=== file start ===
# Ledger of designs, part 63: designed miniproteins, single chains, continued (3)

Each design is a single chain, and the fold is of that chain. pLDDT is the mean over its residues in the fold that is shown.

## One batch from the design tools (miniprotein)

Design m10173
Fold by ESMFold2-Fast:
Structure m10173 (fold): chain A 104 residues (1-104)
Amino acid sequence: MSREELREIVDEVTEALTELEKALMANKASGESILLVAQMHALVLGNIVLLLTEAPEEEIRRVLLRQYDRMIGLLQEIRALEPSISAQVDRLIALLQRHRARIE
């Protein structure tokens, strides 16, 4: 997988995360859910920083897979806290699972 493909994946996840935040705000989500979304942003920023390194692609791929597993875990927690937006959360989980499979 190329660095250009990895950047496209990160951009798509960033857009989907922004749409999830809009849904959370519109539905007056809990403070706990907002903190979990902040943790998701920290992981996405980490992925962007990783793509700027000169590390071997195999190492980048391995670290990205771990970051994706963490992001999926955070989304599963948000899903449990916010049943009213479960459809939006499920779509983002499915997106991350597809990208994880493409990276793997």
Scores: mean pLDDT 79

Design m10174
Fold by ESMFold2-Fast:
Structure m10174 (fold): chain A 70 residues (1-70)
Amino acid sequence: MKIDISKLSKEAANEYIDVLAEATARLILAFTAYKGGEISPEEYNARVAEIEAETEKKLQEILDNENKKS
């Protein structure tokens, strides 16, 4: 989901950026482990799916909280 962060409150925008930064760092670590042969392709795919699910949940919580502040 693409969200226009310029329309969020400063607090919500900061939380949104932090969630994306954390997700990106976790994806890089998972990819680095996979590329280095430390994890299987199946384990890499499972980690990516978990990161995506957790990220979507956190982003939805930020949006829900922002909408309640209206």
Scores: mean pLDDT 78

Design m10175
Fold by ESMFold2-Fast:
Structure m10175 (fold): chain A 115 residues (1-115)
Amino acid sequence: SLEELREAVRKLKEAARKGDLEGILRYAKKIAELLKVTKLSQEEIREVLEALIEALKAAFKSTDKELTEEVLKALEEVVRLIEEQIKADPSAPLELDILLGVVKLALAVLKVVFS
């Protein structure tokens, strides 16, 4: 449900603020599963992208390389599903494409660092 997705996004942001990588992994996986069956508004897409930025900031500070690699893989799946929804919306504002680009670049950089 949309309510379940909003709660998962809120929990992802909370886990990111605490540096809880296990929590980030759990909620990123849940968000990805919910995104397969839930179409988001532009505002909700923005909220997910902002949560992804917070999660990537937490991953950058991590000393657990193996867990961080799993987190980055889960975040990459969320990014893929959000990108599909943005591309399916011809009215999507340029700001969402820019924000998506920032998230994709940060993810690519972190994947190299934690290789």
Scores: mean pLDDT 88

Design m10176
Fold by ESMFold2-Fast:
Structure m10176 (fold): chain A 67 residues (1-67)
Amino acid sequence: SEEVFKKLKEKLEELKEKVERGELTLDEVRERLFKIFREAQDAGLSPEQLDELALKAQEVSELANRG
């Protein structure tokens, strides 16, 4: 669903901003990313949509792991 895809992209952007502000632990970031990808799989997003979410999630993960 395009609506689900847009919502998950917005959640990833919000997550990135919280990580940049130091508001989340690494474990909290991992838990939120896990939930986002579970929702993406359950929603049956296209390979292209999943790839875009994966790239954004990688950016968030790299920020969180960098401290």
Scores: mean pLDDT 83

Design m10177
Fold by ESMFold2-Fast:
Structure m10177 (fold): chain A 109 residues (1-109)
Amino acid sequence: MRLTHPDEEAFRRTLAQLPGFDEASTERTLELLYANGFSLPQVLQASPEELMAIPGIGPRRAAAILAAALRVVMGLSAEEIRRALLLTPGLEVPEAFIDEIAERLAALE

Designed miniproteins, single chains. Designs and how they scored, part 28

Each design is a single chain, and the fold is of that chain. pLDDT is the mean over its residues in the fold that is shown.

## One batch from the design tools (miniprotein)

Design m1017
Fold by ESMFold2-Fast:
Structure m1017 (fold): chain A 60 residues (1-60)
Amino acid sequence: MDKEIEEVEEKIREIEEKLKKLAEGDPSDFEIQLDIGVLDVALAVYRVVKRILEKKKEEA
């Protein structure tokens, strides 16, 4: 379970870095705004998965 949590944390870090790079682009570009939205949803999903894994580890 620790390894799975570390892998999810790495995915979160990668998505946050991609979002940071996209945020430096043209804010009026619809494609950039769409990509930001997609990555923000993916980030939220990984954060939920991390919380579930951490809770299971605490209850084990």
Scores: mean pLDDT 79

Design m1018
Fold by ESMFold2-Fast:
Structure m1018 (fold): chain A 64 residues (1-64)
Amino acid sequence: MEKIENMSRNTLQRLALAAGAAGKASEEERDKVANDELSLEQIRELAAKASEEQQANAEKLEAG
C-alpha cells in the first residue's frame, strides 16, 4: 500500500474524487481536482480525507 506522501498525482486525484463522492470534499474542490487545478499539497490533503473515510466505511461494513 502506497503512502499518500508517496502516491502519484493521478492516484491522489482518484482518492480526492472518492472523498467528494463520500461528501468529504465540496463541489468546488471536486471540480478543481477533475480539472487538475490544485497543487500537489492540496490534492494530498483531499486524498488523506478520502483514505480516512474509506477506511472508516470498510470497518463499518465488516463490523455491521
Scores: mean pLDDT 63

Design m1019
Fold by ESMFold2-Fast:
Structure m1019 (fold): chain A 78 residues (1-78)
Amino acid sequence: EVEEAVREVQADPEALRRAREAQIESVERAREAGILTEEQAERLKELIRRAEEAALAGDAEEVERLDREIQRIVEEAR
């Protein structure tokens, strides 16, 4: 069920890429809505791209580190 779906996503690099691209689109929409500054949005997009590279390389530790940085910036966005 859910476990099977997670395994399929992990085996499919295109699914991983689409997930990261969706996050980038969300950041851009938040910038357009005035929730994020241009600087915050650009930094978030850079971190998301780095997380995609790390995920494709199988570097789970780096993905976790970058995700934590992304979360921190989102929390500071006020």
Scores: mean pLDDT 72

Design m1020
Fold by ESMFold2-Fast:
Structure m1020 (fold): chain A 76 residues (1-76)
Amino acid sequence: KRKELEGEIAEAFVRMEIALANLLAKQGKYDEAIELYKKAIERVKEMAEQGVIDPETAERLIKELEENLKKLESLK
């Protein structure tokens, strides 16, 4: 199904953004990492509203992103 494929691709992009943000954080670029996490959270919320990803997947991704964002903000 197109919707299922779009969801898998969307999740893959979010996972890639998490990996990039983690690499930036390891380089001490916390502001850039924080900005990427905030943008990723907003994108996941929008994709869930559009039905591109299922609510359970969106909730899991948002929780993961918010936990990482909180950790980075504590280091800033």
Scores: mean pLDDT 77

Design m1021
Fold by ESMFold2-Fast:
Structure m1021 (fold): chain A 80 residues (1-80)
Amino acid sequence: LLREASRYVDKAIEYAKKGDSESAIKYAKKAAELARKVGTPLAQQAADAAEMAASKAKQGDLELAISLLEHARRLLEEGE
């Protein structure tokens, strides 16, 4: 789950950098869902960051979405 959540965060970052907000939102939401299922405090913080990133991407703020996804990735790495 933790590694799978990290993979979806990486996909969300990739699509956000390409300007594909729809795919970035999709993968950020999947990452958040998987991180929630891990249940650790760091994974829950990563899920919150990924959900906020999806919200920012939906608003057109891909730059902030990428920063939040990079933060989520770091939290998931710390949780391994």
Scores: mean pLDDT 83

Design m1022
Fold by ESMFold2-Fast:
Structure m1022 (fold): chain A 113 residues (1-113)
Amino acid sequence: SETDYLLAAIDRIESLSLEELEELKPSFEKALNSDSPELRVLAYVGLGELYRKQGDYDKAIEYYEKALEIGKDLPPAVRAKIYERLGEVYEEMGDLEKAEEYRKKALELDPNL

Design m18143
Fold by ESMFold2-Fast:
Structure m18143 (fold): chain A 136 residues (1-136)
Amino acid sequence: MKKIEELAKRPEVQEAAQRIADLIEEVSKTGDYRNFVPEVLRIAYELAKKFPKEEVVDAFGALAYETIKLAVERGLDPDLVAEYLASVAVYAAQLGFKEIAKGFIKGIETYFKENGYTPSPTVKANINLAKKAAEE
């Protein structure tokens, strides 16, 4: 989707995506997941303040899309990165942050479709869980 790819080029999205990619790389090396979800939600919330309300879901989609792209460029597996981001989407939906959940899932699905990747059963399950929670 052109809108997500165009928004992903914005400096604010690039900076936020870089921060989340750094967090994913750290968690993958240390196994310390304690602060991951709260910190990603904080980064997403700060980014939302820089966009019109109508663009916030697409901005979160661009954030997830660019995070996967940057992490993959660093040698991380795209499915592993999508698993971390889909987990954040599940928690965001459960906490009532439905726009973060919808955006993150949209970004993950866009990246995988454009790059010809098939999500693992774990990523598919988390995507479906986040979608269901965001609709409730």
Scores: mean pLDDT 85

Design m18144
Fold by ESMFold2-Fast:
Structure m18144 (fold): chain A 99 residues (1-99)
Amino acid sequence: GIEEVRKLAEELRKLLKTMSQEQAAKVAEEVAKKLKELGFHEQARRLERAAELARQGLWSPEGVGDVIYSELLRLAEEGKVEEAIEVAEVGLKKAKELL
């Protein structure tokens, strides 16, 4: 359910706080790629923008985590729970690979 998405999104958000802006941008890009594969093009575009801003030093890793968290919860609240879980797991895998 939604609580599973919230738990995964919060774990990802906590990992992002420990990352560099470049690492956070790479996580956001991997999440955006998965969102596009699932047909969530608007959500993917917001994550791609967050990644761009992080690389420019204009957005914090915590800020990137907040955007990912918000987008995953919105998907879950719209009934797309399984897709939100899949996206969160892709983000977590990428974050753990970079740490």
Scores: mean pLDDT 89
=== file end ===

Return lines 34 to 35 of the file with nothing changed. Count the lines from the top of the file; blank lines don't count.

## One batch from the design tools (miniprotein)

Design m1017